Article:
- Sexual problems are often the tip of the iceberg for unaddressed issues in a relationship.
- Common causes are stress, drops in oxytocin, low libido, performance pressure, and unresolved problems.
- Determining and fixing the underlying problems is a key to resolving intimacy issues.
I would suspect that many therapists would agree that low frequency of sexual intimacy is, like affairs, a tip of the iceberg of other underlying problems in a couple’s relationship or with one of the partners, and often both. Issues such as differing needs and expectations, priorities, and power, are often played out in the bedroom. While other problems often bring couples into therapy, sometimes sex is the front-burner concern.
Sometimes the problem is about technique and satisfaction, but more often about the larger relationship: “Sex is my way of feeling connected, and now I feel we’re more roommates.” Or, “I don’t understand why we’re not having sex as often and worry if there is something wrong in our relationship that I don’t know about.” Or, “I think there must be some problem with me, but I’m not sure what it is or how to change it.”
Here are five common causes for decreased intimacy and some solutions:
1. Natural drop in oxytocin
Oxytocin is what helps us bond in a relationship—to our newly born child, or to our new love. At the beginning of a love relationship, oxytocin is high, and with it comes a strong desire for sex. But all this changes a few months later; oxytocin levels naturally drop: Evolutionary-wise, it’s time to go back to work, build a family, and stop with all this distraction.
Solution: When this happens, couples worry about why they drop: Is something wrong with us and the relationship? Sometimes, maybe, but not usually—nature is taking over.
Atop the list of what I hear from partners about why they’re not interested in sex is stress: They are preoccupied, and their heads are somewhere else. And if they tend to internalize and hold this all in, it worsens.
Solution: While your instinct is to withdraw, this is a time to branch out. Your partner is wondering what is happening and likely making up irrational stories that blame you or them—time to let them in. Let them know what is going on in your head—this in itself is intimacy—and take it a step further and let them know what you need, whether it's more space for a while, or more nonsexual affection. That said, often engaging in sex, even if you don’t feel like it, will kick in your endorphins and help you feel less stressed.
3. Low libido
It’s not uncommon for partners to have different libido levels, though this is often masked by the oxytocin bump in the beginning. Once partners go back to their baselines, the differences become more apparent and create problems.
Solution: As with stress, research has shown that engaging in sex, even if you don’t physically feel like it, can increase endorphins and help break a negative cycle, which, in turn, can help ramp up your system. But, that said, many physiological factors impact libido—depression, low hormone levels or natural hormonal changes, and the side effects of other medications—time to consult with your physician.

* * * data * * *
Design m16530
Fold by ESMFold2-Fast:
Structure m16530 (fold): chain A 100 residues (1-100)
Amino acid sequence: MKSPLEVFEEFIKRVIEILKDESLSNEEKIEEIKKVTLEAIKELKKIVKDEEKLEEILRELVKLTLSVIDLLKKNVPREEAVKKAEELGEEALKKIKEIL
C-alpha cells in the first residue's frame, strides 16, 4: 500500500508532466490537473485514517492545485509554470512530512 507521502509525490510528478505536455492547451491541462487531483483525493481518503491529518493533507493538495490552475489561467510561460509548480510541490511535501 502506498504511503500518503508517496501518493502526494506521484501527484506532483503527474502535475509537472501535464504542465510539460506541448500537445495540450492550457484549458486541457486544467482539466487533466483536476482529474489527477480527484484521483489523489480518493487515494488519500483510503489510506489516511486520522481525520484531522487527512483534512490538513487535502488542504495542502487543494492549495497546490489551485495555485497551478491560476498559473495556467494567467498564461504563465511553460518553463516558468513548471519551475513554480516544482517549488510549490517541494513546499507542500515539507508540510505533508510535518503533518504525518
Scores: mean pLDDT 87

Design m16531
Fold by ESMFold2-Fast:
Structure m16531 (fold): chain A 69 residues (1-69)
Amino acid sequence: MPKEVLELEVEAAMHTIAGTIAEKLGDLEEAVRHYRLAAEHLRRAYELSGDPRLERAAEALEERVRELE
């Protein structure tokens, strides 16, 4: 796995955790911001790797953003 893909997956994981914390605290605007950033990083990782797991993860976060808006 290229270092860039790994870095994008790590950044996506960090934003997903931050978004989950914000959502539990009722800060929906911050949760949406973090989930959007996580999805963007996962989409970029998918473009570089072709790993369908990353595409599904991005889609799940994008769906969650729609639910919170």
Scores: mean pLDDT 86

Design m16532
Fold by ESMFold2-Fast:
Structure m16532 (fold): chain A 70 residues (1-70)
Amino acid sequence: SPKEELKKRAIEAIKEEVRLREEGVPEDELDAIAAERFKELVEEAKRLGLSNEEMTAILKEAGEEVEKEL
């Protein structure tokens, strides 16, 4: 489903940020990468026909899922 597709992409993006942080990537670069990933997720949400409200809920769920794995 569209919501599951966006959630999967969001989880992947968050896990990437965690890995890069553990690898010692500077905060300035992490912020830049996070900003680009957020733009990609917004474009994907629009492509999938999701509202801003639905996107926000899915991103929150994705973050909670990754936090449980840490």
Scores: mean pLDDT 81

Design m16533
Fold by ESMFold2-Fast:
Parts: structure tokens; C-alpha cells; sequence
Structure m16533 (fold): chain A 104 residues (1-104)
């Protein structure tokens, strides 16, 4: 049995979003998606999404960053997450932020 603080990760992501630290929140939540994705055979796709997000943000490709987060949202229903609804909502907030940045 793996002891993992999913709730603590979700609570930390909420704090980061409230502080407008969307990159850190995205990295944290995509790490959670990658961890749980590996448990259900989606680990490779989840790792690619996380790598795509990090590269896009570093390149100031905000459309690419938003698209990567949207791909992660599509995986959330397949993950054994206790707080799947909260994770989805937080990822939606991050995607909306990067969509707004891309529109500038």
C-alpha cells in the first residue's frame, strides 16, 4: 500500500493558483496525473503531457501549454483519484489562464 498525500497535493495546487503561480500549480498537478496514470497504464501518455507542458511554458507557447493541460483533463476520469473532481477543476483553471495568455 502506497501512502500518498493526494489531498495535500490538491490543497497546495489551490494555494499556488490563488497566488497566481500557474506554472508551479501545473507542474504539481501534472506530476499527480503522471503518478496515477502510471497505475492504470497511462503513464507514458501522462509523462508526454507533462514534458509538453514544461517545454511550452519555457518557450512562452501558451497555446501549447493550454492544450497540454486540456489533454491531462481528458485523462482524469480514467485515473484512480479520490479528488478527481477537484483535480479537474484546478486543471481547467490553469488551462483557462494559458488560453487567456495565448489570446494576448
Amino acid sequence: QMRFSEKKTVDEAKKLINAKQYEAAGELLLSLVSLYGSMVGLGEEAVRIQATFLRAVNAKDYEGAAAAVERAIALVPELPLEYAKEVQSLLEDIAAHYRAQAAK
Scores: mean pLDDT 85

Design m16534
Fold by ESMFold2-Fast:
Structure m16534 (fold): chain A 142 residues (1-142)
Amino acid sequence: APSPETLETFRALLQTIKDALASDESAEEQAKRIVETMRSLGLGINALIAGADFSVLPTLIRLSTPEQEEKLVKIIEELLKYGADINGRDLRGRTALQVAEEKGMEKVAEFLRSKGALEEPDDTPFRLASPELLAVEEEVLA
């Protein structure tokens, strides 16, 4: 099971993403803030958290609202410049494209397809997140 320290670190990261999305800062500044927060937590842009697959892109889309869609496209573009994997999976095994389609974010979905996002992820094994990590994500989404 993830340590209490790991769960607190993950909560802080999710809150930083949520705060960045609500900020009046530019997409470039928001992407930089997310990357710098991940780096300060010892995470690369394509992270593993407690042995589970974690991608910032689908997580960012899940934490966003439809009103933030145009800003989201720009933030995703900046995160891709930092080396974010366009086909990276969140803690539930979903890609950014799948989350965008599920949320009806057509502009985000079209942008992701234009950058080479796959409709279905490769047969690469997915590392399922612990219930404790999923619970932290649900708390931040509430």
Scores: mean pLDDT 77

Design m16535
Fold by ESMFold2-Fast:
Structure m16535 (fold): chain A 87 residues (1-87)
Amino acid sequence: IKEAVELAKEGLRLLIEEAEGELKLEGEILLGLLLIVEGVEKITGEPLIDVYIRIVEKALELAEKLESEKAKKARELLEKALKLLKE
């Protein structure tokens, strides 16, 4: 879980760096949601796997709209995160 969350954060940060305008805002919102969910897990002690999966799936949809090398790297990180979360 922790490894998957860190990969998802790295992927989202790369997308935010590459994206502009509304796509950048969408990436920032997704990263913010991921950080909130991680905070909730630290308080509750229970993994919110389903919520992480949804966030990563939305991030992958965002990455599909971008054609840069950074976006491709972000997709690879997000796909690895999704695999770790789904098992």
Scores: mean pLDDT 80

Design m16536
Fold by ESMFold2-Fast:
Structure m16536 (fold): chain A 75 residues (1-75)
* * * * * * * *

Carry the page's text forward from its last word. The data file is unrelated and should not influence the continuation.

4. Performance pressure
OK, maybe you haven’t had sex for a while due to work travel, stress, or illness. It's time to get back on the horse, but the big date night turns into a disaster. Why? Too much performance pressure, too high expectations. What should be easy and enjoyable feels like putting on a Wagnerian opera. This can quickly turn into a downward spiral, especially for guys who develop chronic ED, where worrying about performance increases performance anxiety, leading to a self-fulfilling prophecy.
Solution: It's time to slow it down, go back to basics, and reboot the psychological and physical system. Start with sensate focus exercises, descriptions easily found online, to take no-pressure baby steps to get back online.
5. Unresolved relationship issues
For those couples that tend to make up after an argument but never go back and resolve it, or bite their tongues and hold in their anger and resentment, this sweeping of problems under the rug can eventually take its toll. Individually, it can lead to depression and shut-down numbness or periodic acting out that gets too quickly dismissed: I’m sorry, it was the alcohol talking. On the relationship level, it can lead to using distance to avoid conflict—We both withdraw, leading to less verbal or physical intimacy. Or it leads to tunnel vision and focus on pet peeves: My partner isn’t attractive or not good in bed. This essentially turns the issue into an emotional garbage can for all the other problems in the relationship.
Solution: Time to talk about the elephants in the room, the problems swept under the rug. The lack of intimacy isn’t the problem but a symptom of a relationship problem. Focus on and fix the relationship.
Because sex is often one of the first aspects of a relationship to be affected when there are other physical, psychological, and relationship issues afloat, you can use the state of your sexual relationship as a barometer to measure the overall health of the relationship. The key is to do just that—not hope that things will somehow get better, but, instead, sort out the underlying problems and take action. As they say, if you keep doing the same thing, you’ll keep feeling the same way.
Taibbi, R. (2017). Doing couple therapy. New York: Guilford.